retail-bubble-quoteRetail experts say they’re starting to see pushback from tenants balking at high asking prices, and nowhere is the conversation more focused than in Soho, where ground-floor asking prices are pushing $1,000 per square foot and above.

However, on the six-block stretch of Broadway more than 20 percent of the storefronts are available for either lease or sublease, according to a review of Agorify data by TRD. And retail specialists who work Soho say tenants are choosing to move to less expensive strips that were once considered less desirable, like Broome Street, where chronic congestion and less foot traffic would have previously outweighed
lower prices. 

“Tenants were always concerned about the Holland Tunnel traffic,” said Beth Rosen of RKF, adding that the street has finally reached the critical mass needed to be a viable option for tenants priced out of prime spots.

“I think that the trend I’m seeing is tenants want to be in Soho,” she added. “People are getting creative and finding other streets.”

Times Square’s bow tie is another area where high rents have pushed tenants out beyond the neighborhood’s normal boundaries.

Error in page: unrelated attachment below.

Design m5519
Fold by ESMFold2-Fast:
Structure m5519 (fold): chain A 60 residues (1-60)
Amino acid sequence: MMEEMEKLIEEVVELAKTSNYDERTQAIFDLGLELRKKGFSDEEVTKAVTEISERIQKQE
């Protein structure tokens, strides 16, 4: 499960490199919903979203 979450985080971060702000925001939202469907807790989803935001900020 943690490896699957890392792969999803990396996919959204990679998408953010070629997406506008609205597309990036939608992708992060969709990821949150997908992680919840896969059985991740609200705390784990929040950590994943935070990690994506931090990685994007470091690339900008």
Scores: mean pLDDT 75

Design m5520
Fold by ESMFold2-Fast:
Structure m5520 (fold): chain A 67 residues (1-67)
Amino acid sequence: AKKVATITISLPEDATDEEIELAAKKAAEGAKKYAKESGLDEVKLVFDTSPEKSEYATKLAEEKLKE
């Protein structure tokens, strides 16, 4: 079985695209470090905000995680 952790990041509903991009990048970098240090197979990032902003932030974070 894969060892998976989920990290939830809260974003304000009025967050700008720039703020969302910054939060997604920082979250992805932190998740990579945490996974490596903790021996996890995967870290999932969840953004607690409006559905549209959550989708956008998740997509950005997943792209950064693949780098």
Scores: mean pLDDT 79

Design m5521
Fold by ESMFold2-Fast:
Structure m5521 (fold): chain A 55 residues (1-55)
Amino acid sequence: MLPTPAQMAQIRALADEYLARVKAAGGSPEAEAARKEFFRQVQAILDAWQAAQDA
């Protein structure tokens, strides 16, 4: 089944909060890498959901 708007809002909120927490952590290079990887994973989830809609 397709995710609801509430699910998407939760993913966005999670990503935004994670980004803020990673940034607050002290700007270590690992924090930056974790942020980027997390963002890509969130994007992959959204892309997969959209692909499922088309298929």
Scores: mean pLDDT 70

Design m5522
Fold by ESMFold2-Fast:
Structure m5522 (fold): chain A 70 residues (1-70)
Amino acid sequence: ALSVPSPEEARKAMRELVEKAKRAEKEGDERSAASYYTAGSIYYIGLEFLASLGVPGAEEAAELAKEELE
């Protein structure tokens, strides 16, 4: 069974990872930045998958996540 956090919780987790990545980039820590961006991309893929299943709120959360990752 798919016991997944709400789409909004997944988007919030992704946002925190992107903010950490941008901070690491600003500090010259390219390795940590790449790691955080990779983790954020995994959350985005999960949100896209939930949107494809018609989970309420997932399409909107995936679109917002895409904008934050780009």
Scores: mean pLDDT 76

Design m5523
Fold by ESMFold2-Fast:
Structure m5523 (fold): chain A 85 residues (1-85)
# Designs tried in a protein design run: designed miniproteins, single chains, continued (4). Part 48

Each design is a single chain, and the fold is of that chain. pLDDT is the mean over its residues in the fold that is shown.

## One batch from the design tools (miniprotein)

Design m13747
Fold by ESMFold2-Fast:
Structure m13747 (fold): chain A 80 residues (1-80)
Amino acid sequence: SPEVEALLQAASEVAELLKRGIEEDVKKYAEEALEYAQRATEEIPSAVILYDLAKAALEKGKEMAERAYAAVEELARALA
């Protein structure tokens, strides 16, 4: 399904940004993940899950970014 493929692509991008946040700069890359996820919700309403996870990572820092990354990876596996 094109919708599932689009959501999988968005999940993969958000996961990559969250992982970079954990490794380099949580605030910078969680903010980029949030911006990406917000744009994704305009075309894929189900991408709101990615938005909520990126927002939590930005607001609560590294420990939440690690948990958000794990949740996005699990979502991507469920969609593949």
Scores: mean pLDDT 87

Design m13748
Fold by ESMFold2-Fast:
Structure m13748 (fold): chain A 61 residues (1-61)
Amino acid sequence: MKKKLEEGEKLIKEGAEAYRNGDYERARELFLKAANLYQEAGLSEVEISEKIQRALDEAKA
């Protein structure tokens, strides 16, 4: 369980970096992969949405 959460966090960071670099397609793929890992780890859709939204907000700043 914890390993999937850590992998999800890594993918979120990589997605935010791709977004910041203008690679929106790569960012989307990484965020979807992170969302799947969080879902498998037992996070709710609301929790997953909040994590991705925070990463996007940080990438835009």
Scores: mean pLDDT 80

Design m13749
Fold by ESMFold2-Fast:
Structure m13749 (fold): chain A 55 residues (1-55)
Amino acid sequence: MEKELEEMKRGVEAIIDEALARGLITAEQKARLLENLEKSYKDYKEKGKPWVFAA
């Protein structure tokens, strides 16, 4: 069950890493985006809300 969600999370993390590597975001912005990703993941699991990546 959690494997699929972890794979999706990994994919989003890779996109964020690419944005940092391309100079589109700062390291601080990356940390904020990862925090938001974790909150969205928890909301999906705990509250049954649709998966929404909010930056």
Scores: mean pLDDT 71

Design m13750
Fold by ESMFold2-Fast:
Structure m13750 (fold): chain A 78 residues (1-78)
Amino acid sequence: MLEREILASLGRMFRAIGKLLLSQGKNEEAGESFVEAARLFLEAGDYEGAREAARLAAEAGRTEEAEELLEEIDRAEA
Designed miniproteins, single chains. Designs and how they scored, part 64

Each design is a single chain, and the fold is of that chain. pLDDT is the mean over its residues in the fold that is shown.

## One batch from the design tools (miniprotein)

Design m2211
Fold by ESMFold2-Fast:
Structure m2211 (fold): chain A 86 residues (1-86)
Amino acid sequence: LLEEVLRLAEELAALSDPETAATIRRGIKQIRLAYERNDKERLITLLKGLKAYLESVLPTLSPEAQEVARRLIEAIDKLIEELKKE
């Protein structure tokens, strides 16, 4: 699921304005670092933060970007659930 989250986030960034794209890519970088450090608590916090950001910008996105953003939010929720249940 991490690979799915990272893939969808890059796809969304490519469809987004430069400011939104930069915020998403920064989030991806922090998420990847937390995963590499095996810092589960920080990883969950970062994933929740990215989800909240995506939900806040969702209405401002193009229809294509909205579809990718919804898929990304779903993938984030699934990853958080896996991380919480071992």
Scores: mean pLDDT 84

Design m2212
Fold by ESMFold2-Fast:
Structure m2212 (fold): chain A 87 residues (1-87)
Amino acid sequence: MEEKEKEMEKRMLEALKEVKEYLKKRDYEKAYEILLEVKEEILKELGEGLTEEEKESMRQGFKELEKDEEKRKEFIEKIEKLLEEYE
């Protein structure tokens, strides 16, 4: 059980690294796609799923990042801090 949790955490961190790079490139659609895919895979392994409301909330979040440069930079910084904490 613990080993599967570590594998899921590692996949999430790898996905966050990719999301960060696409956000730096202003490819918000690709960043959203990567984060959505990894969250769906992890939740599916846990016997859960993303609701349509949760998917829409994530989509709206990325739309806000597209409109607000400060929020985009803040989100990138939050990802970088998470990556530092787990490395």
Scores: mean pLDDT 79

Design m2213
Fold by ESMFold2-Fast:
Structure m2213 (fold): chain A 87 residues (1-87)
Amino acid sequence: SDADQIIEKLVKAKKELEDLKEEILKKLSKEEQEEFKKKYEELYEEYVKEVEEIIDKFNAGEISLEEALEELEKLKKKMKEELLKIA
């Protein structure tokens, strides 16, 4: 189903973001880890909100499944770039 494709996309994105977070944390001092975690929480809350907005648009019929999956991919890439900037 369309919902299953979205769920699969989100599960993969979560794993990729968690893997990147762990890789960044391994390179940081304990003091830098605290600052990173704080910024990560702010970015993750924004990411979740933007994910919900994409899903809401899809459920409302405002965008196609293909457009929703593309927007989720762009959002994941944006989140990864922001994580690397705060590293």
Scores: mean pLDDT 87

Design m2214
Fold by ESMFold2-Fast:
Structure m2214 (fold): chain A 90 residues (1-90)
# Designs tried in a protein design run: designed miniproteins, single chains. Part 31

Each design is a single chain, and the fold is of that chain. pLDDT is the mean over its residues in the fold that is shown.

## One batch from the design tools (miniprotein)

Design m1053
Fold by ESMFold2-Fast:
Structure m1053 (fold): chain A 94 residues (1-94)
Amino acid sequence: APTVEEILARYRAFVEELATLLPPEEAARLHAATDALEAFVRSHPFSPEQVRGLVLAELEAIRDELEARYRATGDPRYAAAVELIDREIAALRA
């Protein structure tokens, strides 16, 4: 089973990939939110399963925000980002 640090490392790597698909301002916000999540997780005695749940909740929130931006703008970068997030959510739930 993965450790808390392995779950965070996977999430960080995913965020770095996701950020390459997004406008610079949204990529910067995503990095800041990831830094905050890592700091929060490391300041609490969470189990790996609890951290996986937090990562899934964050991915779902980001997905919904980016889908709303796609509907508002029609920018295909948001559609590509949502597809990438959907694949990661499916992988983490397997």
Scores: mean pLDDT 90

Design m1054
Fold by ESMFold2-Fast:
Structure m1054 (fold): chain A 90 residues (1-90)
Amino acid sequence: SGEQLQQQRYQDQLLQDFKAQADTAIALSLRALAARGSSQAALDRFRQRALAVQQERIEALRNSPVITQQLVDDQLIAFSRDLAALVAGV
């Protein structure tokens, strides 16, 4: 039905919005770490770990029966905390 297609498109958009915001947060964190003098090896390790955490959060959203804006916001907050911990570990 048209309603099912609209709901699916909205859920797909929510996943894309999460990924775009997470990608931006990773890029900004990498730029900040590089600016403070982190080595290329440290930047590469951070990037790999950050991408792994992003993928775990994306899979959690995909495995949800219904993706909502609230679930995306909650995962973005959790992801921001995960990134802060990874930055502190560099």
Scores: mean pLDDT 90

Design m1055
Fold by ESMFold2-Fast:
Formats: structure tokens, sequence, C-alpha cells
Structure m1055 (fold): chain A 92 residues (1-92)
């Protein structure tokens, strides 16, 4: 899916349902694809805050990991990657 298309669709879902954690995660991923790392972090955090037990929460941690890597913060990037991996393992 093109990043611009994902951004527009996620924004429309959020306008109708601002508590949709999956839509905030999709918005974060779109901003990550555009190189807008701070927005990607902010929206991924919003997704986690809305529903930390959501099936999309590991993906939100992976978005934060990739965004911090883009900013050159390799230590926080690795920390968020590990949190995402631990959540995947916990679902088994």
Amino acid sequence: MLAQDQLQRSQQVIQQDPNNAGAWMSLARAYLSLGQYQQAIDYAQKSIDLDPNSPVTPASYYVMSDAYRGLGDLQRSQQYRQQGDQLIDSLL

“In Times Square, the bow tie has been stretched,” said JLL’s Craig Slosberg. “I’ve seen spaces as far south as 39th Street and 40th Street calling themselves ‘Times Square South’ and adding large sign packages.”

The question for prime areas may come down to which tenants can afford the highest rents.

Richard Hodos, vice chairman at CBRE, said those with higher margins that can afford to pay 16-to-22 percent occupancy costs — the total of rents, taxes and other costs — can probably continue to justify paying top dollar, while those in the 8-to-12 percent range will probably get squeezed out.

He said he sees a correction coming, not in the form of tenants shutting their doors, but of asking rents gradually coming back down to earth.

“I see more of a softer landing than a bubble bursting. It might be painful for some owners,” he said. “Sometimes it’s like ripping off a Band-Aid all at once, rather than a slow rip. I think it might be more of a slow rip.”

Still, that leaves the question: With investors paying ever-greater sums for properties in the hottest areas, which landlords are set up to absorb a correction, and which will be left feeling the pain?

Jared Epstein of Aurora Capital Associates, which owns a number of retail properties in Soho and the Meatpacking District, said a climate of high rents pushed by compressed cap rates is normally a recipe for disaster. He predicted the coming fallout will separate the inexperienced investors and developers from those on the top of their game.

“They know that retailers will continue to thrive in Soho, the Meatpacking District and along Fifth Avenue, even with surging rents. In these neighborhoods, on a few very select streets, retail sales volumes and branding value continue to justify the rents,” he said. “Top retail investors and developers have a big edge and will continue to flourish, even when the tide turns.”